One of the things that satisfy engineers and product developers the most is to see their newly released products sell like hotcakes. It goes right to the core of why they pursued careers in science and engineering, to create things that better the lives and capabilities of others.
One of the things that satisfy finance and business professionals the most is to see the products they decided to invest in become successful.
One of the things that satisfies investment bankers and brokers the most is to see companies with a continual stream of winning products year after year.
Perhaps these are the reasons why a metric that did not exist before 1988 is now the number one corporate R&D performance metric in North America.
Most of us know the metric as “New Product Sales,” or “Revenue Due To New Products,” along with a myriad of other names. What they all strive to measure is the “newness” of annual revenues. The actual value of this key performance indicator [KPI] differs greatly by market, by the length of product lifecycle, and by the age of the company.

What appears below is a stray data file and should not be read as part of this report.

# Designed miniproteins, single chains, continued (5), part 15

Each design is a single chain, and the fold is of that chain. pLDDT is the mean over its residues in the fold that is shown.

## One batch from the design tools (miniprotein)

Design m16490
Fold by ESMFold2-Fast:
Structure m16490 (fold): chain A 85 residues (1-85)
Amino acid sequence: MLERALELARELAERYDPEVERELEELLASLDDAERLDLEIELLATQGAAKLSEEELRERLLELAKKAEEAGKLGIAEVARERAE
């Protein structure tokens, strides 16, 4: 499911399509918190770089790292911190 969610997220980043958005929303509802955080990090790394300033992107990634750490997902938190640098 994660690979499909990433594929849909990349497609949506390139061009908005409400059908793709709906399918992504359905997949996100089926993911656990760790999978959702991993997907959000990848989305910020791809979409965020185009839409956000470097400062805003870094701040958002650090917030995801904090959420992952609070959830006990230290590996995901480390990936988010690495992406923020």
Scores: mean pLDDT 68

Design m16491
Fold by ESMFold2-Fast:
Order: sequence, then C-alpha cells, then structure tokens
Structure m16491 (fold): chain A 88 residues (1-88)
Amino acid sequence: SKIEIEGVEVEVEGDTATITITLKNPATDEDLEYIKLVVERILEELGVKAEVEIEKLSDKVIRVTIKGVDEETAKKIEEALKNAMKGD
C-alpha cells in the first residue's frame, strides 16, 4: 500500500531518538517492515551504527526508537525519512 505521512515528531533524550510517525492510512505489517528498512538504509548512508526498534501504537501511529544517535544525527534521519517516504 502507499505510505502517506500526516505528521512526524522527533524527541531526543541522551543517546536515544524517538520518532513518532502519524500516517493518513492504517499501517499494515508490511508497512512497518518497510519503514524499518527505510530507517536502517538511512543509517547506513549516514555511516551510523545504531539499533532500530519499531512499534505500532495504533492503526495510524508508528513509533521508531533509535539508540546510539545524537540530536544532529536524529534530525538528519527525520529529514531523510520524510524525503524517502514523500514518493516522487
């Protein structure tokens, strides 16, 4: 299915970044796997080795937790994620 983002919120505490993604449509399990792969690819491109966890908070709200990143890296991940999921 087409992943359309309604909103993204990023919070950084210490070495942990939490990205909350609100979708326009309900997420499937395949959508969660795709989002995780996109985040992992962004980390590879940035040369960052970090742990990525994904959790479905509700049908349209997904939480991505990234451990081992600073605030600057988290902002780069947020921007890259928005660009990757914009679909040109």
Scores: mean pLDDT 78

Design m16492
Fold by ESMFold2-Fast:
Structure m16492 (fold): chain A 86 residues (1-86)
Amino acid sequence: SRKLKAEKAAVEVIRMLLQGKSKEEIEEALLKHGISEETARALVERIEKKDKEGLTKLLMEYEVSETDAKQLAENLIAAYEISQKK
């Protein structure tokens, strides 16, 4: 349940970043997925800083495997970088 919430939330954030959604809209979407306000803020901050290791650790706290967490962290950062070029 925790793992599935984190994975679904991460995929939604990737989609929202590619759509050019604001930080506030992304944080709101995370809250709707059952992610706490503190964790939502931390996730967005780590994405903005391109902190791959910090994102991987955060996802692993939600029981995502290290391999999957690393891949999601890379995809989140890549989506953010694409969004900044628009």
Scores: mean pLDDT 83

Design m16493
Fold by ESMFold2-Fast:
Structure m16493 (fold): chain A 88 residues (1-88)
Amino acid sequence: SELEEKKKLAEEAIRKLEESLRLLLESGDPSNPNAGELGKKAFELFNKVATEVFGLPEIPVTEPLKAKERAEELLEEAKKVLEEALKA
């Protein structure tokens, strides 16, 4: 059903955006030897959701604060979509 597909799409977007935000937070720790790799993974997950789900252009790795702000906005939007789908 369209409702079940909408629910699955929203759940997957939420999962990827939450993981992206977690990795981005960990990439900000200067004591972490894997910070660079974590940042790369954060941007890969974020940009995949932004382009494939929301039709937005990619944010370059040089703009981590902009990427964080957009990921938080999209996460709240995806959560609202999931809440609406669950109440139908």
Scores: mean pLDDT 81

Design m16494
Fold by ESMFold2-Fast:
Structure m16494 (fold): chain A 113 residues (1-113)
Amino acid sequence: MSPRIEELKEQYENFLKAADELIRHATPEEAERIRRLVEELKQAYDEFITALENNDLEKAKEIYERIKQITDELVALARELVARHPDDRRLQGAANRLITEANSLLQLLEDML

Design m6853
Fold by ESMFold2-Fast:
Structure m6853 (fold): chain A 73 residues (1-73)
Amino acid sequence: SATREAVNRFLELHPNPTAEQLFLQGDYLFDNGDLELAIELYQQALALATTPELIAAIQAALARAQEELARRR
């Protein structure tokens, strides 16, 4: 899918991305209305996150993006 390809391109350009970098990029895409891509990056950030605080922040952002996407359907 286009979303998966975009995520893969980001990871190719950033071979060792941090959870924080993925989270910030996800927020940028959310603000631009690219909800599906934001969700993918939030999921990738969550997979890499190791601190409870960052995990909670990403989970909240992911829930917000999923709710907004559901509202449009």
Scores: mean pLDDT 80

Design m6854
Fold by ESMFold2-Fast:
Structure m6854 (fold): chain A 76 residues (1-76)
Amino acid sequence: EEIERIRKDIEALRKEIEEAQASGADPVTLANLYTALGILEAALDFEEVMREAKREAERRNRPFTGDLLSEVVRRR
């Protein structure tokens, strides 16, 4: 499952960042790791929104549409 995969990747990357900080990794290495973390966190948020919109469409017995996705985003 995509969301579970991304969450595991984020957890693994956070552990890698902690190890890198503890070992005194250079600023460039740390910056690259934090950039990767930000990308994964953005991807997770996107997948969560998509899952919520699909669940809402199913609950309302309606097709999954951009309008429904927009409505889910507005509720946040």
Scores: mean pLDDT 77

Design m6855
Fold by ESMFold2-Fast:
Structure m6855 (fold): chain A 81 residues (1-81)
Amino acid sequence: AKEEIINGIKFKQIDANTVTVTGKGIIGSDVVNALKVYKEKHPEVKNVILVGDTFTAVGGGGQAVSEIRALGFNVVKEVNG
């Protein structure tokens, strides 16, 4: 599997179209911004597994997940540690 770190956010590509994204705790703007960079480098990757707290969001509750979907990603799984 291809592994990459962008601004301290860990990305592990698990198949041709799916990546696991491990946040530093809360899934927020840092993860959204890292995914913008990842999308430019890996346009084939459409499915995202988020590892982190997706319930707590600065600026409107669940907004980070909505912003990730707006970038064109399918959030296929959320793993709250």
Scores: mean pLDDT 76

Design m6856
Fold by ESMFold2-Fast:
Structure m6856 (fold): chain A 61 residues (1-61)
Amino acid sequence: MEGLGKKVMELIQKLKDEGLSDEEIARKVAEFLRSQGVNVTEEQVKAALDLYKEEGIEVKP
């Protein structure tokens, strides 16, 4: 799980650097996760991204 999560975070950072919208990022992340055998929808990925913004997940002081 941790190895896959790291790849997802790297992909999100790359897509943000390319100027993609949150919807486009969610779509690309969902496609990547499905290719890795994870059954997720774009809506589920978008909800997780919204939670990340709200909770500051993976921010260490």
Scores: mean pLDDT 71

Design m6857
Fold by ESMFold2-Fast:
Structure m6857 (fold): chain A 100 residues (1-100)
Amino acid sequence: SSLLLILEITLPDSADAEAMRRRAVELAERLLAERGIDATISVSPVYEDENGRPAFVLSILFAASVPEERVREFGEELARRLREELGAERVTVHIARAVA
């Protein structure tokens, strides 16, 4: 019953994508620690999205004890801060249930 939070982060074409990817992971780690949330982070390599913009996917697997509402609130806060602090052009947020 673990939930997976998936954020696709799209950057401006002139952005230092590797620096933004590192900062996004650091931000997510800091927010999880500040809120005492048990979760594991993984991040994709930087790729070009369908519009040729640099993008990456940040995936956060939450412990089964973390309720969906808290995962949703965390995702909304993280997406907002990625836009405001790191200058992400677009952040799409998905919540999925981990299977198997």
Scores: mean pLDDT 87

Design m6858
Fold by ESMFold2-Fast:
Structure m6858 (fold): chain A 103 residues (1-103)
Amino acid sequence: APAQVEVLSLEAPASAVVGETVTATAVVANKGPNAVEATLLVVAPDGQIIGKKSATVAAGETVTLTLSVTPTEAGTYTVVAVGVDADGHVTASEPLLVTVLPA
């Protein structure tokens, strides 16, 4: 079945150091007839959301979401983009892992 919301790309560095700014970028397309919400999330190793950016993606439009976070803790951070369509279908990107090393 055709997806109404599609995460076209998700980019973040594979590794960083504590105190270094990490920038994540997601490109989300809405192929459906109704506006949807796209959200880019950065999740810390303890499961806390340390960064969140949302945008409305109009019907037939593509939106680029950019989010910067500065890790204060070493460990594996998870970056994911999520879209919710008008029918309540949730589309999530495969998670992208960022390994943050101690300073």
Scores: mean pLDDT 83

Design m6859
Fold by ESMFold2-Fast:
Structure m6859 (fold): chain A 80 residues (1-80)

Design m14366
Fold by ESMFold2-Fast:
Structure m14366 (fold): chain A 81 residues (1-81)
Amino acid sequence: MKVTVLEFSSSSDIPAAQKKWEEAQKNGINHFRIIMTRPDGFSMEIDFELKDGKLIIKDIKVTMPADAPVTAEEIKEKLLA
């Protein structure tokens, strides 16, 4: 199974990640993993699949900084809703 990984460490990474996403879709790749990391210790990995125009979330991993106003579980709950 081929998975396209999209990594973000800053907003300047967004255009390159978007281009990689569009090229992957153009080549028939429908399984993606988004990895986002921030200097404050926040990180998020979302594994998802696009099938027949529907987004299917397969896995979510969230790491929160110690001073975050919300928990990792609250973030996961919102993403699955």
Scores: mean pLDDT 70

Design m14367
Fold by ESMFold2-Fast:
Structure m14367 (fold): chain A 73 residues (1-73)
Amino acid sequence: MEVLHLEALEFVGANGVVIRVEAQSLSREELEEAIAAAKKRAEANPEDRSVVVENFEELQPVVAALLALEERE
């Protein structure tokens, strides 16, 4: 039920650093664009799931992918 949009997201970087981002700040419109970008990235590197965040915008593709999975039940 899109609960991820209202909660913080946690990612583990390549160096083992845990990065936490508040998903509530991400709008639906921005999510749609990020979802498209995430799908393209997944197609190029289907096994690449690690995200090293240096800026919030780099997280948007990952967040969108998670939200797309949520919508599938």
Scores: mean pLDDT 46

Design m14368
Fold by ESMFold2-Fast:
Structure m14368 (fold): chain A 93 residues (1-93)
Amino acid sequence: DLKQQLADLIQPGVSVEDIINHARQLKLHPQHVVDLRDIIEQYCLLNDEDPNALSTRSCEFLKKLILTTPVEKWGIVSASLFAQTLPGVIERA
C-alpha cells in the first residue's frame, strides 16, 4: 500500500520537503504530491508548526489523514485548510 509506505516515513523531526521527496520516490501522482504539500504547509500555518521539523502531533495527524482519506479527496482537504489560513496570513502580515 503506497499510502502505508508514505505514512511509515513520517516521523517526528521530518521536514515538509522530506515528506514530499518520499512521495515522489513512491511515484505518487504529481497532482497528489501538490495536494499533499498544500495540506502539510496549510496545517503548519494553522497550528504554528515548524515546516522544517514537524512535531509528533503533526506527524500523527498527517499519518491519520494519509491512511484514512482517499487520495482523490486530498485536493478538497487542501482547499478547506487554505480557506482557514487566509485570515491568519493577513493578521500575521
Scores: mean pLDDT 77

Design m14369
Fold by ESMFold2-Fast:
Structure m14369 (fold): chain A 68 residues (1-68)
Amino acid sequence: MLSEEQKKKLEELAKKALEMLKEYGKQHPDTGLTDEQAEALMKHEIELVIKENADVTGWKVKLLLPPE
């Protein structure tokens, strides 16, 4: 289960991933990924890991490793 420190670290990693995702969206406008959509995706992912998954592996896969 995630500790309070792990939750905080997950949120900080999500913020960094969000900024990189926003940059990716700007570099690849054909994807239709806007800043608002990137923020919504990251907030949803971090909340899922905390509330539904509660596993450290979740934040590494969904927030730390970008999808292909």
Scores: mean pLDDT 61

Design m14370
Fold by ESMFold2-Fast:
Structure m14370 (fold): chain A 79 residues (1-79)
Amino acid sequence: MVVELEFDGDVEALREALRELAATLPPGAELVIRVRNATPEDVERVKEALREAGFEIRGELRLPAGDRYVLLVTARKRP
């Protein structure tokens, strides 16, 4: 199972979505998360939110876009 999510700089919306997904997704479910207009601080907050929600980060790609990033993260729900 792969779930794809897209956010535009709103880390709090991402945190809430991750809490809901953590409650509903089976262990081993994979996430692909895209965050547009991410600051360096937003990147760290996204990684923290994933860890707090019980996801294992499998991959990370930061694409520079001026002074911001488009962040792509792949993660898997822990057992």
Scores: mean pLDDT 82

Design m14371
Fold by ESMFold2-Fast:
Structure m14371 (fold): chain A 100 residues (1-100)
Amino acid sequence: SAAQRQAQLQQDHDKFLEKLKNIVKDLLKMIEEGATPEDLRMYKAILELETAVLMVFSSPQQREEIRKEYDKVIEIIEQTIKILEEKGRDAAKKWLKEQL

Published on Product Design & Development Magazine’s Product Design & Development website, Measuring Product Development Vitality examines the evolution and the industry adoption rates of this metric since its inception in 1988. The article explores differing definitions of the metric, differing definitions of how companies classify a product as being “new” or “old,” offers benchmarks for industry values when a new product is defined as being less than three years old, and discusses consequences when companies try to game the value of the metric.